Parentelligence Blog

Paging Dr. Google

Jennifer Wojciechowski

You may have decided to create family resolutions, or have a personal new year’s resolution. But, as parents our biggest resolution is to do our best to take the best possible care of our children.

One of the more nerve wracking moments is when a child develops a cough, rash, or earache. We don’t want to overreact and rush to the doctor, but what if it’s serious? How do you know? Unfortunately, a lot of parents turn to Google to find out. While searching online may result in some helpful information, it can also be uber-scary because you can find all these unique, rare, serious possibilities.

In my job in community education, I run into several people a week who have Google-diagnosed their health concerns. They might be right but they are often looking at some of the remotest of possible conditions. There are good resources online for searching for health information.

How's the View

Jennifer Wojciechowski

When pilots train they learn from a book, and then simulators, then by riding in the co-pilot’s seat. It’s a progression of information that’s built upon the comprehension of the previous set of knowledge learned.

Driving a car is no different. It is not recommended, and by Washington State Law not allowed, that children ride in the front seat until the age of 13 years old. This has to do with the bone structure and how it develops after we go through puberty; how the seatbelt holds onto said bone structure and the fact that in the front seat, in a front-end collision, the engine block is being shoved into the passenger compartment. This is a very safe, reasonable recommendations for keeping kids safe in a car.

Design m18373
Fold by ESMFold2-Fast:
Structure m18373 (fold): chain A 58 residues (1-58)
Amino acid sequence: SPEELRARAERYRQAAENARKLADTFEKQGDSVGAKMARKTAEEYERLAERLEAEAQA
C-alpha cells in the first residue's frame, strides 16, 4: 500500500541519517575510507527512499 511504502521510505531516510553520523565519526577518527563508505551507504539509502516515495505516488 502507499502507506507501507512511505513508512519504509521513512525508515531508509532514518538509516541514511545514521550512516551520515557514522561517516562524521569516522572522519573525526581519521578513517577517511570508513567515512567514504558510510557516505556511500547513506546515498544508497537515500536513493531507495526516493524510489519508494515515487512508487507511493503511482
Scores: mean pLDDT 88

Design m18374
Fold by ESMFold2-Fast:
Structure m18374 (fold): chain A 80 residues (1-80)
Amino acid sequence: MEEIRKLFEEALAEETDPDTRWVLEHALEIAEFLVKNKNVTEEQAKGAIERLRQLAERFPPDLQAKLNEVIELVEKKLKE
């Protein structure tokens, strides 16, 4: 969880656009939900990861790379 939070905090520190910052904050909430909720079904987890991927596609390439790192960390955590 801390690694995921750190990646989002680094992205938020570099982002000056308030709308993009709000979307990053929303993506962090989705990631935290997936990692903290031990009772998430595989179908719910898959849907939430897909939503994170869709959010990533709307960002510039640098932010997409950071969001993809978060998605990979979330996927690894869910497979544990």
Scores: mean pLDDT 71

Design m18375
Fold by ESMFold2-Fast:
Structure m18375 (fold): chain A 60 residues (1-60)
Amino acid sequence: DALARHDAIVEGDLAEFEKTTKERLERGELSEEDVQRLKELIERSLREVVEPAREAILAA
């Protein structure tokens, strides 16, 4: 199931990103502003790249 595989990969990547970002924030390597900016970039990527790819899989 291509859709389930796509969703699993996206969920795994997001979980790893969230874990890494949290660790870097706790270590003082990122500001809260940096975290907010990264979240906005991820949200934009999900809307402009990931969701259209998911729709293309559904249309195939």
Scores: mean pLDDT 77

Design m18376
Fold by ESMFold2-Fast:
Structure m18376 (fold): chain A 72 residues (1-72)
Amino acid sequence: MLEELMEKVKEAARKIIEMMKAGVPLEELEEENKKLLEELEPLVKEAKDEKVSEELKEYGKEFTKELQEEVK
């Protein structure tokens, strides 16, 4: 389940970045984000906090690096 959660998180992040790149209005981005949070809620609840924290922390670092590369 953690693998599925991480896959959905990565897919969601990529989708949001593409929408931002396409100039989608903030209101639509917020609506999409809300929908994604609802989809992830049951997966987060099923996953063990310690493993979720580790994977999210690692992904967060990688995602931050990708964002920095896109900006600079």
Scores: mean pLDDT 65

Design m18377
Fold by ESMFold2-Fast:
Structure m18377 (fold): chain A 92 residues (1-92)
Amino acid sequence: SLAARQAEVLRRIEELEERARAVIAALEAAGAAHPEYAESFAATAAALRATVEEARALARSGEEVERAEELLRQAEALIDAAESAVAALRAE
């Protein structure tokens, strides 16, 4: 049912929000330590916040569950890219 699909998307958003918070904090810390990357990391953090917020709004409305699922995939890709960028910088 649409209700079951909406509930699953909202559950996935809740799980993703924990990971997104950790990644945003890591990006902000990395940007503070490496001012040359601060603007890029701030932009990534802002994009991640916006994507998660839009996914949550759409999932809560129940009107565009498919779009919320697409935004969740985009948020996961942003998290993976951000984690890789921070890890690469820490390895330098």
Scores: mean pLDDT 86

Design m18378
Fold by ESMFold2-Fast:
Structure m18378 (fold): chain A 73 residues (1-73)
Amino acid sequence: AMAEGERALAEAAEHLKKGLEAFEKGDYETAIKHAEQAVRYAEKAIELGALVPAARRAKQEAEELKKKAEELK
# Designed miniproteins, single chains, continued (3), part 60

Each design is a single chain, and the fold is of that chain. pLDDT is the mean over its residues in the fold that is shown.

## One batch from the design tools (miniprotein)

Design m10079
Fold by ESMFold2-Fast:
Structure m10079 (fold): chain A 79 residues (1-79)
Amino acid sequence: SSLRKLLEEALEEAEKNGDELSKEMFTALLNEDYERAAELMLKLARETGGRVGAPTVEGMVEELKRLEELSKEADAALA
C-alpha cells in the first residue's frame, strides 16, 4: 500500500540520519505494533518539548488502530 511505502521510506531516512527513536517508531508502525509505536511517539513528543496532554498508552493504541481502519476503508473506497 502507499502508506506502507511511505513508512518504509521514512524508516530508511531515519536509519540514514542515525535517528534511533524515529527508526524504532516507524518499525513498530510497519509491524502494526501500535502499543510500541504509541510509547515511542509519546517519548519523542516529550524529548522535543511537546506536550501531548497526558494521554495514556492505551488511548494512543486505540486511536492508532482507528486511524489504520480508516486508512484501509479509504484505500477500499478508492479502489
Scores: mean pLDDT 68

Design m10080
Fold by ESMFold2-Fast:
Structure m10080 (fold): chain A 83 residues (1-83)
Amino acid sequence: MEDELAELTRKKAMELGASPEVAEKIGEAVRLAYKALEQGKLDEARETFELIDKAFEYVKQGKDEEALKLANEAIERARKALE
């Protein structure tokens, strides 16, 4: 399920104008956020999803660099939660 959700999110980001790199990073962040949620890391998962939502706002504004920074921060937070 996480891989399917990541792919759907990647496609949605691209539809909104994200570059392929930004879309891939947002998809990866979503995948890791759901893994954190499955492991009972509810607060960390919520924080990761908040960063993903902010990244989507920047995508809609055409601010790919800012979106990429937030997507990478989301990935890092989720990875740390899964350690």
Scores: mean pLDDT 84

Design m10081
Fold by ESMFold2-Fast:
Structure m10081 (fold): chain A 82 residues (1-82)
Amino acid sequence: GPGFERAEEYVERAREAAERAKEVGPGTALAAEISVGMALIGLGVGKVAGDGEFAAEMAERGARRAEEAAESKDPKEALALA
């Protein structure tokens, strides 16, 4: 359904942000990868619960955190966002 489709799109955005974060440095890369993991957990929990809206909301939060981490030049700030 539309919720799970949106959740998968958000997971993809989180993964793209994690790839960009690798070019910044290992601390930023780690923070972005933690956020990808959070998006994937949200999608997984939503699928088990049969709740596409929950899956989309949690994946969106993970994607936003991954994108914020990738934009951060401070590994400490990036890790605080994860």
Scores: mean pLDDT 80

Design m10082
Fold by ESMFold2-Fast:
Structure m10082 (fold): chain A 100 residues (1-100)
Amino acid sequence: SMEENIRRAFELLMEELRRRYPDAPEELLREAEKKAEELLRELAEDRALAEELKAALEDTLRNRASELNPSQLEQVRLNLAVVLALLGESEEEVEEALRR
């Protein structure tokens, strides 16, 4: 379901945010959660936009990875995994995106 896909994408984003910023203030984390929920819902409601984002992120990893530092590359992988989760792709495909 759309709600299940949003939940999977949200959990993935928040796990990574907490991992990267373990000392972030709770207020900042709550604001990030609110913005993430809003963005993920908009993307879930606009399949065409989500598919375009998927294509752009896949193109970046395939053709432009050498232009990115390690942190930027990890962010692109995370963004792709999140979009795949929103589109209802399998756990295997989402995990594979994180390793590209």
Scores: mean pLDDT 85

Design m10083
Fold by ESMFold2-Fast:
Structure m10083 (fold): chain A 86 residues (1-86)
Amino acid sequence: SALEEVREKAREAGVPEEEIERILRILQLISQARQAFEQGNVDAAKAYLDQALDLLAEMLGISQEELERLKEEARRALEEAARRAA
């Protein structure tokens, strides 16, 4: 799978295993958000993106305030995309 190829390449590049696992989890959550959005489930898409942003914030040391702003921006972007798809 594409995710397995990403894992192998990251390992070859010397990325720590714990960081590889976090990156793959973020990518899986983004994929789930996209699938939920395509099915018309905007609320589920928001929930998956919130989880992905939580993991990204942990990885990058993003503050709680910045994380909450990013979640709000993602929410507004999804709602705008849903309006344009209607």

If a child starts riding in the front seat at the age of 13 years, they will have 2 to 3 years worth of observation before they start driving the vehicles themselves...unless they’re looking at screens.
Years ago, we started putting DVD players and game systems into vehicles to keep kids happy and occupied. Smartphones, iPods, iPads, and all other handheld entertainment systems have followed those kids up to the front seat, once they were old enough to sit there.

The problem lies with the fact that they’re not learning from observation. The parents are probably not having conversations about ...

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Top Authors

Jennifer Wojciechowski
Uma Pisharody, MD, FAAP

Uma Pisharody, MD, FAAP
Pediatric Gastroenterologist

Robert L. Weinsheimer, MD

Robert L. Weinsheimer, MD
Pediatric General Surgeon

Elizabeth Meade, MD

Elizabeth Meade, MD
Pediatric Hospitalist

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